God Speed the Plough: The Representation of Agrarian England, 1500-1660

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Overview

This book presents a fresh view of crucial processes of change, offering through an interdisciplinary analysis fresh insights into both the history and literature of the land in early modern England. It examines a wide range of source material concerned with the practices and values of rural England—sermons, pamphlets, satiric verse and drama, husbandry and surveying manuals, chorographic texts, and rural poetry. It traces important developments in patterns of representation, which at once parallel and promote the nation's shift toward modern standards of individualism and mercantilism.

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Editorial Reviews

From the Publisher
"...a recent entry in this notable field, and, while nothing can replace acquaintace with primary texts, it may be recommended as an excellent place to start." Studies in English Literature

"The work is characterized by an admirably thorough and ingenuous reading across several genres of printed works." The Sixteenth Century Journal

"God Speed the Plough is an innovative and important testimony to the value of interdisciplinary work, which incontestably succeeds in its object of demonstrating "the role of literature as an agent of social change"." Lorna Hutson

"In his emphasis on generic particularity on the social and ideological entailments of certain ways of writing, McRae provides a more valuable example of what the new interdisciplinarity can do: not erase difference in a world of homogenized idea, but rather reveal differences, how they have been constructed, and why they matter." Richard Helgerson, University of California

"God Speed the Plough is an innovative and important testimony to the value of interdisciplinary work, which incontestably succeeds in its object of demonstrating 'the role of literture as an agent of social change'." JLS

"McRae provides a valuable example of what the new interdisciplinary can do: not erase difference in a world of homogenized idea, but rather reveal differences, how they have been constructed, and why they matter. And when all this is accomplished with refernce to matters as significant as the use and distribution of the land, the result is likely to be worth attending to-as is it clearly stated here." Richard Helgerson, Journal of Historical Geography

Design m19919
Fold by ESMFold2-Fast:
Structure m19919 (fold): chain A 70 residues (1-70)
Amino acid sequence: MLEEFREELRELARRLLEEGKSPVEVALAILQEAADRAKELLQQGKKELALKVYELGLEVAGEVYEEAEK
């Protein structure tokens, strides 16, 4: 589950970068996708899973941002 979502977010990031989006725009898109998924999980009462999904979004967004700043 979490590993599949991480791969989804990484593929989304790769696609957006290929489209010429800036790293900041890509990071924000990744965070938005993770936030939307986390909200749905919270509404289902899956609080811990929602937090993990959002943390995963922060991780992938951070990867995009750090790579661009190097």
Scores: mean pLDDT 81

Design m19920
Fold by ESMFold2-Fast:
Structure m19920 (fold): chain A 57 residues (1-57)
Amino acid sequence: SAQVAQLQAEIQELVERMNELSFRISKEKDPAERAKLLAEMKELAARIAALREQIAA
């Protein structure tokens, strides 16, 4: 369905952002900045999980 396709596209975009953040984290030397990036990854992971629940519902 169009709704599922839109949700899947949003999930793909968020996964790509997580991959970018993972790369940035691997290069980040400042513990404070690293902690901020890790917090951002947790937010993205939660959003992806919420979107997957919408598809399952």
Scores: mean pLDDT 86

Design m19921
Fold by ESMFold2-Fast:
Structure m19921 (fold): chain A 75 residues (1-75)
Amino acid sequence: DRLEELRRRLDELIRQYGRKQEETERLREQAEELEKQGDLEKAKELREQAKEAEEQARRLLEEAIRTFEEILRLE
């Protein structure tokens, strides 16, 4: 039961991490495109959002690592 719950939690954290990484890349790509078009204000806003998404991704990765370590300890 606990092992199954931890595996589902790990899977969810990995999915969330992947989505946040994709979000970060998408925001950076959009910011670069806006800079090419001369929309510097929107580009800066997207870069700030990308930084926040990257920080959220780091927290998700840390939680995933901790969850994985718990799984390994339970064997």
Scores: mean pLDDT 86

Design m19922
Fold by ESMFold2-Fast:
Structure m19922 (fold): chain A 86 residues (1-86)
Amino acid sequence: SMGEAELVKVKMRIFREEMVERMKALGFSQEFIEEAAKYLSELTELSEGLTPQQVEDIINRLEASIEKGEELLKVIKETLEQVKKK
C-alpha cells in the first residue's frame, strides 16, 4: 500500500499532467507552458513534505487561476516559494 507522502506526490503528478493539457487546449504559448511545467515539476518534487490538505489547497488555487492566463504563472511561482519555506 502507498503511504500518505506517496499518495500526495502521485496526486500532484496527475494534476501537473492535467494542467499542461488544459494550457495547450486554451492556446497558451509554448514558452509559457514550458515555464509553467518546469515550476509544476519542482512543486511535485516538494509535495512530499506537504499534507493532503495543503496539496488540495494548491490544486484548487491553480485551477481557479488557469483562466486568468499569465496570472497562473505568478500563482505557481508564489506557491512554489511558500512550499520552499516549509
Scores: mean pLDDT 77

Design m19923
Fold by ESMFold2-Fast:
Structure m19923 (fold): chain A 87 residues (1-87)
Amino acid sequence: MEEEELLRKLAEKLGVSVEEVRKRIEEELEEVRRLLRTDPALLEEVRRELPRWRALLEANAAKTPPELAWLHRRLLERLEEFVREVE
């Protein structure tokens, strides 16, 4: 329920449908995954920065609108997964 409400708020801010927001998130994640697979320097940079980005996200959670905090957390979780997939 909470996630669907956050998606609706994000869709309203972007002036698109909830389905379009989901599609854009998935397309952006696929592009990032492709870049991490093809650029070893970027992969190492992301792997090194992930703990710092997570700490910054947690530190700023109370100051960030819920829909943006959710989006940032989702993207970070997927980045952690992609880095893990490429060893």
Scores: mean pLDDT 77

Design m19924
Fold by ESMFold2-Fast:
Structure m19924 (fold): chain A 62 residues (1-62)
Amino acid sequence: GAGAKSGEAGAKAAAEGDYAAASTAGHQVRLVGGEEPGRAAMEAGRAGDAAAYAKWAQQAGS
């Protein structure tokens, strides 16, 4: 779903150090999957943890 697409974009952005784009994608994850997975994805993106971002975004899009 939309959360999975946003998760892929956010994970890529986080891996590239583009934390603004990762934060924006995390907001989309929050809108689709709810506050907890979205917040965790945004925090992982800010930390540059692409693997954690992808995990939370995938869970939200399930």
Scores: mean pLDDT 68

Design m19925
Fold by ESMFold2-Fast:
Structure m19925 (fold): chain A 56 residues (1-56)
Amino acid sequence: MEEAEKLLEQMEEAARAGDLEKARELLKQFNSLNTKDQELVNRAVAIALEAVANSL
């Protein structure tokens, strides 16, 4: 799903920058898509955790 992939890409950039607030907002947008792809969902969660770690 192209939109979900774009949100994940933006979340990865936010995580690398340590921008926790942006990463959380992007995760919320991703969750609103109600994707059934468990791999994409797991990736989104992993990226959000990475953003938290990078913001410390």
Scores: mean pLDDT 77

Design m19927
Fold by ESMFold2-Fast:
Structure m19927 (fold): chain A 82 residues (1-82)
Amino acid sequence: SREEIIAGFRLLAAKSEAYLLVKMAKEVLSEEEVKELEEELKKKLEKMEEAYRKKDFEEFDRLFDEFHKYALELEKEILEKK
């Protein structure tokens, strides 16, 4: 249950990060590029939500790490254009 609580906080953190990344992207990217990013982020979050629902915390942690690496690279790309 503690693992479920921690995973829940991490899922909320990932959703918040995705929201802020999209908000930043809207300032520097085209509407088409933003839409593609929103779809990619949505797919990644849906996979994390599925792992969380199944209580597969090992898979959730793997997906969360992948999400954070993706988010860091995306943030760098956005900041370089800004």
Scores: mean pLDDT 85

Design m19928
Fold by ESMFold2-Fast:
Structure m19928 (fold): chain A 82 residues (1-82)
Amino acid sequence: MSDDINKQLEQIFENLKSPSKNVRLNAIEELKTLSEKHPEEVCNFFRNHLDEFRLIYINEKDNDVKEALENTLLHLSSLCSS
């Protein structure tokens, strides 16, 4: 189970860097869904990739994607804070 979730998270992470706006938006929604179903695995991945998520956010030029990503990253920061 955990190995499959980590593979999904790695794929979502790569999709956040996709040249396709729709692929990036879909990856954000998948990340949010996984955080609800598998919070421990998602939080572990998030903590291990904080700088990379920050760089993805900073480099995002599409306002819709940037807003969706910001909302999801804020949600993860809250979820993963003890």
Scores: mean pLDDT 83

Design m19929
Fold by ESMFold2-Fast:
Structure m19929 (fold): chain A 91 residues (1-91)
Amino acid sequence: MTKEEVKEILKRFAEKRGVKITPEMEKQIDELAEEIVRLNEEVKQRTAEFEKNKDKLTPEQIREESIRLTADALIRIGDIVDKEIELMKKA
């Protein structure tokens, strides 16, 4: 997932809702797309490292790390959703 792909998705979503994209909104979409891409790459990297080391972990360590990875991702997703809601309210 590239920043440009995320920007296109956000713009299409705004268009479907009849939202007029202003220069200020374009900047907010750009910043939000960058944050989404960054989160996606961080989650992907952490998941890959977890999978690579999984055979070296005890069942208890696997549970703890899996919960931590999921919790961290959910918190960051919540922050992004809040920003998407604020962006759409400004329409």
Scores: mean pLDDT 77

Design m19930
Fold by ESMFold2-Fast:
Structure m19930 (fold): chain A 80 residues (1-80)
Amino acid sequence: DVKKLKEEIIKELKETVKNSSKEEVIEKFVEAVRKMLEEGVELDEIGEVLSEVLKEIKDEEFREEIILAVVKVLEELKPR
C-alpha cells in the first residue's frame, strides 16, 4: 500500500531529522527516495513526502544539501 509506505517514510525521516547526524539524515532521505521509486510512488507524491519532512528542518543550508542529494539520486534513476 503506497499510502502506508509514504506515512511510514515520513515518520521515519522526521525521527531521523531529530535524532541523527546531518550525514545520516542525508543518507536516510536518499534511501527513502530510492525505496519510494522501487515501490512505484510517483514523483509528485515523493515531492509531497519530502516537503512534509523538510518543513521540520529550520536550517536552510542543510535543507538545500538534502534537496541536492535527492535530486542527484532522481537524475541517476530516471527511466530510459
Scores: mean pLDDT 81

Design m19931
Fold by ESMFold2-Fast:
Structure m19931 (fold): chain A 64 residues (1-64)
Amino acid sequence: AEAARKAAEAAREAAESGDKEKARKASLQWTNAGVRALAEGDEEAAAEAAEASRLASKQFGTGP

"McRae provides a more valuable example of what the new interdisciplinarity can do..." Richard Helgerson, Journal of Historical Geography

"Andrew McRae has written a stimulating book that will be valuable for students of both the history and literature of early modern England....the book is unusually accessible and makes a helpful contribution to our understanding of social change in the sixteenth and seventeenth centuries..." Michael Finlayson, Agricultural History

"This important interdisciplinary work examines literary representations of the English rural landscape and its economy and society in the sixteenth and seventeenth centuries. Andrew McRae's book differs from many contributions to the 'new historicism' in literary criticism in its treatment of an impressive array of printed sources drawn from a variety of genres, a literature McRae explores to uncover the dynamics of an agrarian discourse." Dan Beaver, Albion

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Product Details

  • ISBN-13: 9780521453790
  • Publisher: Cambridge University Press
  • Publication date: 12/28/2004
  • Series: Past and Present Publications Series
  • Pages: 352
  • Product dimensions: 5.43 (w) x 8.50 (h) x 0.94 (d)

Table of Contents

Introduction; Part I. Versions of Moral Economy: 1. Covetousness in the countryside: agrarian complaint and mid-Tudor reform; 2. Moral economics and the Tudor-Stuart Church; 3. The rural vision of Renaissance satire; 4. Agrarian communism; Part II. Imperatives of Improvement: 5. Husbandry manuals and agrarian improvement; 6. 'To know one's own': the discourse of the estate surveyor; 7. Georgic economics; Part III. The Profits and Pleasures of the Land: 8. Chorography: the view from the gentleman's seat; 9. Rural poetics; Bibliography.

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